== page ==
With this information in mind, I have found that most Society Finches do need to be in the "breeding mode" before they will successfully raise chicks. To see if they are receptive to incubating eggs if they have not started laying their own, you can give them infertile eggs from a previous clutch of eggs, or even the small plastic finch eggs. Just remember that in my experience, even if they begin incubating the eggs, they may not feed or care for the hatched babies if they are too young (not sexually mature.) And, contrary to popular belief, not every Society Finch will be a good parent.
Breeders differ on foster pairing
Society Finches that are laying their own eggs will usually accept both eggs and just hatched live babies from another pair of birds. However, I have found that they are more likely to do this if they have been allowed to raise a clutch of their own babies first. This is not the information I received when getting started with fostering. Most breeders believe that you should never allow Society Finches to raise their own babies first, as this will predispose them to rejecting chicks of other species. For instance, Gouldian chicks have distinct mouth markings along the edge of their mouths to facilitate the feeding parents in the darkened cavities where they breed in the wild. Society chicks do not have these markings. But my experience has not been the rejection of Gouldian chicks after Society Finches have raised a clutch of their own.
Society Finches can be paired as foster parents in the following way:
* 1 cock and 1 hen
* 2 hens
* 3 cocks
The second two scenarios will usually result in better success since same sex pairings will not want to start a second clutch before the first clutch is independent. This is important when using Society Finches as foster parents because Society Finches do not feed their own chicks as long as Gouldian parents would feed theirs. So if a cock and hen pair begin breeding again before the chicks are ready to be on their own, they can sometimes neglect the first clutch of chicks before the chicks are ready to be on their own. Even though Gouldian chicks may not get as much food while being fed by Society parents, they will make up for lost time once they start eating on their own. So while they make be smaller in stature upon weaning, they will be about matched to chicks raised by Gouldian parents by 3-4 months of age.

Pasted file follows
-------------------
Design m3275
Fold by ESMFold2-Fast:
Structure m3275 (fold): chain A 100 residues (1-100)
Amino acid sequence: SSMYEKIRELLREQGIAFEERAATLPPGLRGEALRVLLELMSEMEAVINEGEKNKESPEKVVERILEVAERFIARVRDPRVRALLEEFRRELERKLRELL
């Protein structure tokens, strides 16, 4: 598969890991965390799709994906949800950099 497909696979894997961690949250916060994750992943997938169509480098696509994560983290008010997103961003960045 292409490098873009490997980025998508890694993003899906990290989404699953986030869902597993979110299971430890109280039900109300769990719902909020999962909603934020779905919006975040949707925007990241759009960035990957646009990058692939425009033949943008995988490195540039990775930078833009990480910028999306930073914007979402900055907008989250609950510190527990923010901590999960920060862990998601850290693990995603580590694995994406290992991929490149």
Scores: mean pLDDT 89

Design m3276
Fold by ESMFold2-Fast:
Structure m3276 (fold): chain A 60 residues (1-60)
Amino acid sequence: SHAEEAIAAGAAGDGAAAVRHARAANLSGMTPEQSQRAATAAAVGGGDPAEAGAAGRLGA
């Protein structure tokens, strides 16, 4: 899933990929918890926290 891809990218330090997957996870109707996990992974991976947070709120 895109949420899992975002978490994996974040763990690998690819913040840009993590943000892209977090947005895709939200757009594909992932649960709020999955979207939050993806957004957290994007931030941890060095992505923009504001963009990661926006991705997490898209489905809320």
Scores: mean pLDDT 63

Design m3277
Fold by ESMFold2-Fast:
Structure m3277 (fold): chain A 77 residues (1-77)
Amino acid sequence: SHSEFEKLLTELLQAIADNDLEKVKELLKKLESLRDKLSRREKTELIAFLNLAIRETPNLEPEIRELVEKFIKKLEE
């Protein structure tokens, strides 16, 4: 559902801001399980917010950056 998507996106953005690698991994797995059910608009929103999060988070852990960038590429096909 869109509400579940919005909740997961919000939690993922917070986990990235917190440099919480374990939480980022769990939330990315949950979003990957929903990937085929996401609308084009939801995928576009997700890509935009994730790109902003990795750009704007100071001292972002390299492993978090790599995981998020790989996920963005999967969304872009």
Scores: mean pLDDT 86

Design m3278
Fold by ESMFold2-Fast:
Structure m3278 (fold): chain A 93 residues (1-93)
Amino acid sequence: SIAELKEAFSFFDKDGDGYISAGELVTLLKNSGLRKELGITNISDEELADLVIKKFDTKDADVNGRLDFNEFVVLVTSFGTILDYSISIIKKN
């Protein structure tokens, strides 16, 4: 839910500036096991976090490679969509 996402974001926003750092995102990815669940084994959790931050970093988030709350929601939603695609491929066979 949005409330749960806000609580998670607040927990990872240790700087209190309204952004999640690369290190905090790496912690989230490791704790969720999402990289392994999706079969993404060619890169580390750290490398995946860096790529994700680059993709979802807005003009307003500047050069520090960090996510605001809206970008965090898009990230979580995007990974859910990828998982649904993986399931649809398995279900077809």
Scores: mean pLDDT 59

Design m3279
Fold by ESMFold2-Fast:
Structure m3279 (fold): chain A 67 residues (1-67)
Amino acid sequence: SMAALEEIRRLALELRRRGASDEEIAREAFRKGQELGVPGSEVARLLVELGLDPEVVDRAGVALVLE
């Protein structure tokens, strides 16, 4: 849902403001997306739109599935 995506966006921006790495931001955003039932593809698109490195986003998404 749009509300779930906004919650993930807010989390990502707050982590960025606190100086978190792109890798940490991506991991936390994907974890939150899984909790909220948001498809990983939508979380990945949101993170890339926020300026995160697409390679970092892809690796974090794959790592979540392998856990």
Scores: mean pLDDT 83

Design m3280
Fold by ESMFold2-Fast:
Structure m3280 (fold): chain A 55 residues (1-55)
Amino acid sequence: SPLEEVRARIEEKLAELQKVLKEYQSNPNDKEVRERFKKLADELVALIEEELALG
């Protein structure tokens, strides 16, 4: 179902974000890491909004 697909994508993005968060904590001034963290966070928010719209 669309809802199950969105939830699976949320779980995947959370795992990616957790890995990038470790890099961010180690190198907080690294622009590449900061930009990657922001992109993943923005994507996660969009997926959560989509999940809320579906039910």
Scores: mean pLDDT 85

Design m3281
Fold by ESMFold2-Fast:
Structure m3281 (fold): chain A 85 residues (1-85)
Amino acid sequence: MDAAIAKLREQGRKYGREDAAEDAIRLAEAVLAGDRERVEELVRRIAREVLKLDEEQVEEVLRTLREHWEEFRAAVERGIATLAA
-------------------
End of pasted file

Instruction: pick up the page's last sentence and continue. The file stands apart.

Societies give babies head start
If the Gouldian parents aren’t eating a varied diet, using societies as foster parents give the Gouldian babies a better head start in life. Since Societies eat a variety of different foods, they will feed the babies those same foods. Unless the Gouldian parents are also eating a varied diet their babies will most likely get only seed while they are developing.
I have read several articles that state if you want to stop the transfer of airsac mites to the Gouldian babies, use the Society finch to foster. The article say that Society finches do not get this mite. In my experience I do not find this to be true. Society should be treated the same as Gouldians with the S76 or SCATT treatment.
When Society Finches are used to foster any other species bird, it is important to remove the chicks from the Society parents as soon as possible (being independent) so that they do not "imprint" on the Society Finches and later in life reject pairing with other Gouldians.
Society Finch Nest Box - hand crafted with wide opening allowing the friendly and very social Society Finch not to miss anything that is going on. Designed for inside hang with top opening for easy inspection of fostered babies. Measures: 4 ½" W x 5 ¼ "D x 4 ¾" H. Entrance opening 4 ½" x 2 ¼".